The following article is excerpted and adapted from Amnesty International's report, "Cuba: Government Crackdown on Dissent," issued in April.
Amnesty International believes that there are some 600 people currently imprisoned in Cuba because of their peaceful attempts to exercise their rights to freedom of expression, association and assembly.
Over the past decade, people wishing to exercise various civil and political rights -- such as human rights defenders, government opponents, lawyers, journalists, trades unionists, environmentalists and others -- have come together to form groups and many have attempted to register with the Ministry of Justice. The majority have simply never received a response, either positive or negative.
Amnesty International is only aware of one case in which a response was received. In December, 10 years after he had submitted the relevant documentation, Dr. Leonel Morejon Almagro (a lawyer) received a reply from the Ministry of Justice turning down his request to register an ecological organization called NaturPaz , NaturePeace, of which he is president.
The reason given was that another organization with similar aims already existed. According to Dr. Morejon, the official organization to which the letter referred was only established in 1993. Amnesty International believes that it was no coincidence that the rejection came at that time.
Since October Dr. Morejon had been one of the leading members of a new coalition of unofficial groups called Concilio Cubano , Cuban Concilium, and in fact has since then been imprisoned because of his activities with the coalition.
In 1991, Dr. Morejon was reportedly briefly detained, together with one other person, after they organized a demonstration in the name of NaturPaz outside of the UNESCO office in Havana to protest the Iraqi invasion of Kuwait. He said that he was told at that time that the existence of independent groups would not be permitted and that it was the task of the Cuban Communist Party to establish policies regarding peace and ecological matters.
Such unofficial groups have never been formally declared to be illegal and to a certain extent their activities have at times been tolerated. In the past, many members of such groups have been imprisoned, often for several years, on charges such as "illegal association, assembly and demonstration," "clandestine printing," "enemy propaganda" or "rebellion."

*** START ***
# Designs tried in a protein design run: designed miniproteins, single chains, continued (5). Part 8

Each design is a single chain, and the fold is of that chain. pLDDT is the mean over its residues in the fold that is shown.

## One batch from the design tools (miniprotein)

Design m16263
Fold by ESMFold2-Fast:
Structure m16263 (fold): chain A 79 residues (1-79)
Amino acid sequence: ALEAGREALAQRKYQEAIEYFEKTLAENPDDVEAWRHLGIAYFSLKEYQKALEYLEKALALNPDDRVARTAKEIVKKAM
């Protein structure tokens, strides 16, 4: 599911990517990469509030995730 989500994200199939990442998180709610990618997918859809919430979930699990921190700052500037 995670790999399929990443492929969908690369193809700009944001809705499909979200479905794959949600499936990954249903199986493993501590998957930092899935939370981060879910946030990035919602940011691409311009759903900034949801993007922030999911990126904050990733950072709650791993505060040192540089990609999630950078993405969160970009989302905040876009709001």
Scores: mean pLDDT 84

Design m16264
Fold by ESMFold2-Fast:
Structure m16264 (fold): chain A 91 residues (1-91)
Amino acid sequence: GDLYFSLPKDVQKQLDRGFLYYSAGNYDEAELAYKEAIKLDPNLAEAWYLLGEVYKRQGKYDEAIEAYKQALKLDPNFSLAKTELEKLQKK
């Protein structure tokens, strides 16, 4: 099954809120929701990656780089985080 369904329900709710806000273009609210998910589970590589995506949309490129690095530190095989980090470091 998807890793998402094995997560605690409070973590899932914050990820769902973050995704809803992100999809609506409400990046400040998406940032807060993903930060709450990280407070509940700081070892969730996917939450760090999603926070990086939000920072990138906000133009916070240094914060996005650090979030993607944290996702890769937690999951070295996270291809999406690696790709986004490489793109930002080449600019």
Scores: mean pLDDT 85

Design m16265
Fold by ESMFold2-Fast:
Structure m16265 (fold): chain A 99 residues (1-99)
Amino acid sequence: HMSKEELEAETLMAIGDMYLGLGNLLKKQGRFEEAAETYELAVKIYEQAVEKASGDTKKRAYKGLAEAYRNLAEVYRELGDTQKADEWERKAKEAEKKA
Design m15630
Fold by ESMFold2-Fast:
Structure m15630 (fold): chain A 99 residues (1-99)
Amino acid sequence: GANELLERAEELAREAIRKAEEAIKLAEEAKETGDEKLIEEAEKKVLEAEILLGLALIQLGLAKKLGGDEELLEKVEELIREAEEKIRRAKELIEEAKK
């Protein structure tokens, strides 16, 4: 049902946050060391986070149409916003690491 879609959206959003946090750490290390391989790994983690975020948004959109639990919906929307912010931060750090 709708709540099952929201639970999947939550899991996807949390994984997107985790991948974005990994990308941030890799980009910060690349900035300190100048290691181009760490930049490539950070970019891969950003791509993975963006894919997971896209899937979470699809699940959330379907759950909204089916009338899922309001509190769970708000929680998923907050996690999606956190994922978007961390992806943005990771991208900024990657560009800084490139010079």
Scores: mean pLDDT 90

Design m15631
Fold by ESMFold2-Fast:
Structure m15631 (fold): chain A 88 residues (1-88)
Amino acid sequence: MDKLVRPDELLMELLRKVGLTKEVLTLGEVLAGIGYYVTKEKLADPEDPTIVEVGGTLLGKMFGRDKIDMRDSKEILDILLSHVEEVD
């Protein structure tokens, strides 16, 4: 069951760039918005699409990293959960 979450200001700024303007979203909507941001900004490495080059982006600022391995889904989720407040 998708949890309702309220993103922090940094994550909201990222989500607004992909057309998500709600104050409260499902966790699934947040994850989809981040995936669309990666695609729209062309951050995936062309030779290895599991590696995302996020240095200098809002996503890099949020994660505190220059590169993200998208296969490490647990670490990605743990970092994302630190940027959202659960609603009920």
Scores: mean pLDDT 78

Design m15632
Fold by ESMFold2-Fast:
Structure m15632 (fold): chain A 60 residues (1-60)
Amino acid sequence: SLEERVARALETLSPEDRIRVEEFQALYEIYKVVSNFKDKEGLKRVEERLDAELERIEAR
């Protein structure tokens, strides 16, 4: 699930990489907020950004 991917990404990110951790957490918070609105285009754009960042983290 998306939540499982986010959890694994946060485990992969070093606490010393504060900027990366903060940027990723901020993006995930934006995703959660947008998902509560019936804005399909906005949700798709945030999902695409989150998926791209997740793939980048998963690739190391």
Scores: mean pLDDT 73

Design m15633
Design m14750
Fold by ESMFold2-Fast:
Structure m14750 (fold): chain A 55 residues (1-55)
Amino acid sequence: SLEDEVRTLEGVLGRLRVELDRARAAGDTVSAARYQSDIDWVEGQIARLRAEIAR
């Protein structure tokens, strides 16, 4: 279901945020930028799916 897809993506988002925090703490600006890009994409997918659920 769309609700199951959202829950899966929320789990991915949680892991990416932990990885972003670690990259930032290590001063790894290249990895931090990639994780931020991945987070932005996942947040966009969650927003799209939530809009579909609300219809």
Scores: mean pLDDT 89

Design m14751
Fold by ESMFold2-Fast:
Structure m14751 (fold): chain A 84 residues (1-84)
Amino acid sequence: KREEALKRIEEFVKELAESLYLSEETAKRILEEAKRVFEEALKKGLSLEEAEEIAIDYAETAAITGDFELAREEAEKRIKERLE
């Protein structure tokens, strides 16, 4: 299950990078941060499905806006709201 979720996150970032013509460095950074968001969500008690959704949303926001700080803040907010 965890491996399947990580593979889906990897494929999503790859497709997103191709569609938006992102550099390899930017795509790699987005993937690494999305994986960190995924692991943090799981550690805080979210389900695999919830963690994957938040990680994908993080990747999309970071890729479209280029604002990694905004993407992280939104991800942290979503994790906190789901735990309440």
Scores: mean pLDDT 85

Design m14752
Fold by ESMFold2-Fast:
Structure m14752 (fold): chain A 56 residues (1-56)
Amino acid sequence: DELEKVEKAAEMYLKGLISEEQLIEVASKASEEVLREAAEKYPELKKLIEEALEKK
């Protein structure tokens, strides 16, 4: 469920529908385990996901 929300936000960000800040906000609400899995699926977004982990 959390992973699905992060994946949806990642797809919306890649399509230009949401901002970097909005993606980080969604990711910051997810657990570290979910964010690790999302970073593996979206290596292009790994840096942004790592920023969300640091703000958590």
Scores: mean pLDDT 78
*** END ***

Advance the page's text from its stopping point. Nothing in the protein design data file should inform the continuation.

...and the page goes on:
Amnesty International considers those imprisoned for such activities to be prisoners of conscience, as long as they have not used or advocated violence.
From mid-1994, however, when thousands of Cubans fled the country by boat and raft, the Cuban authorities appeared to change their tactics. Rather than arresting them and bringing them to trial, the tendency was to repeatedly detain them for short periods and threaten them with imprisonment unless they gave up their activities or left the country.
Following the establishment of Concilio Cubano in October, the level of this kind of harassment increased and there were signs of a deliberate campaign on the part of the authorities to discredit members of the group. On Feb. 15 an extensive round-up of members of groups belonging to Concilio Cubano began, with dozens of people being taken into custody for short periods and subjected to threats of imprisonment and physical violence.
Amnesty International believes that the reason for the new crackdown on what have so far been entirely peaceful activities is that it is the first time that the government of President Fidel Castro, which has been in power since the Cuban Revolution in 1959, has been faced with any degree of serious opposition of an organized and peaceful nature.
During 1995, there were three modest but important developments.
* Several lawyers, mostly belonging to an unofficial group called the Corriente Agramontista , Agramontist Current -- and in particular its president Dr. Rene Gomez Manzano, who went on to become one of the founders of Concilio Cubano -- began to speak out more boldly on issues relating to the justice system.
* Second, journalists came together to set up several independent press agencies, which also later joined Concilio Cubano .
* And third, in October, Concilio Cubano itself was formed when some 40 unofficial groups came together. Within a short space of time, the number of groups belonging to Concilio Cubano had grown to over 100. This sudden burgeoning of groups and activity clearly perplexed the Cuban government at a time when it was seeking foreign aid to resolve its serious economic problems and was under pressure from the European Union and others to improve its human rights record.
The Cuban authorities began to take measures against members of Concilio Cubano almost immediately. (Although most were detained, questioned and released, two were arrested on Feb. 15 of this year, then tried and sentenced to prison terms:)
On Feb. 21, relatives of Lazaro Gonzalez (one of four deputy delegates of Concilio Cubano ) were informed that he was to be tried on charges of "disrespect" and "disobedience." At the trial, which lasted three hours, Lazaro Gonzalez was found guilty and sentenced to 14 months' imprisonment.
(On Feb. 22) the trial of Dr. Morejon took place. He was charged with "resistance," apparently on the grounds that when plainclothes State Security police arrested him, he requested them to identify themselves and asked whether they had a warrant. He was sentenced to six months' imprisonment.
Amnesty International is calling for the immediate and unconditional release of Dr. Morejon and Lazaro Gonzalez on the grounds that they are prisoners of conscience detained solely for peacefully attempting to exercise their rights to freedom of expression, association and assembly.
© 1996 The Miami Herald.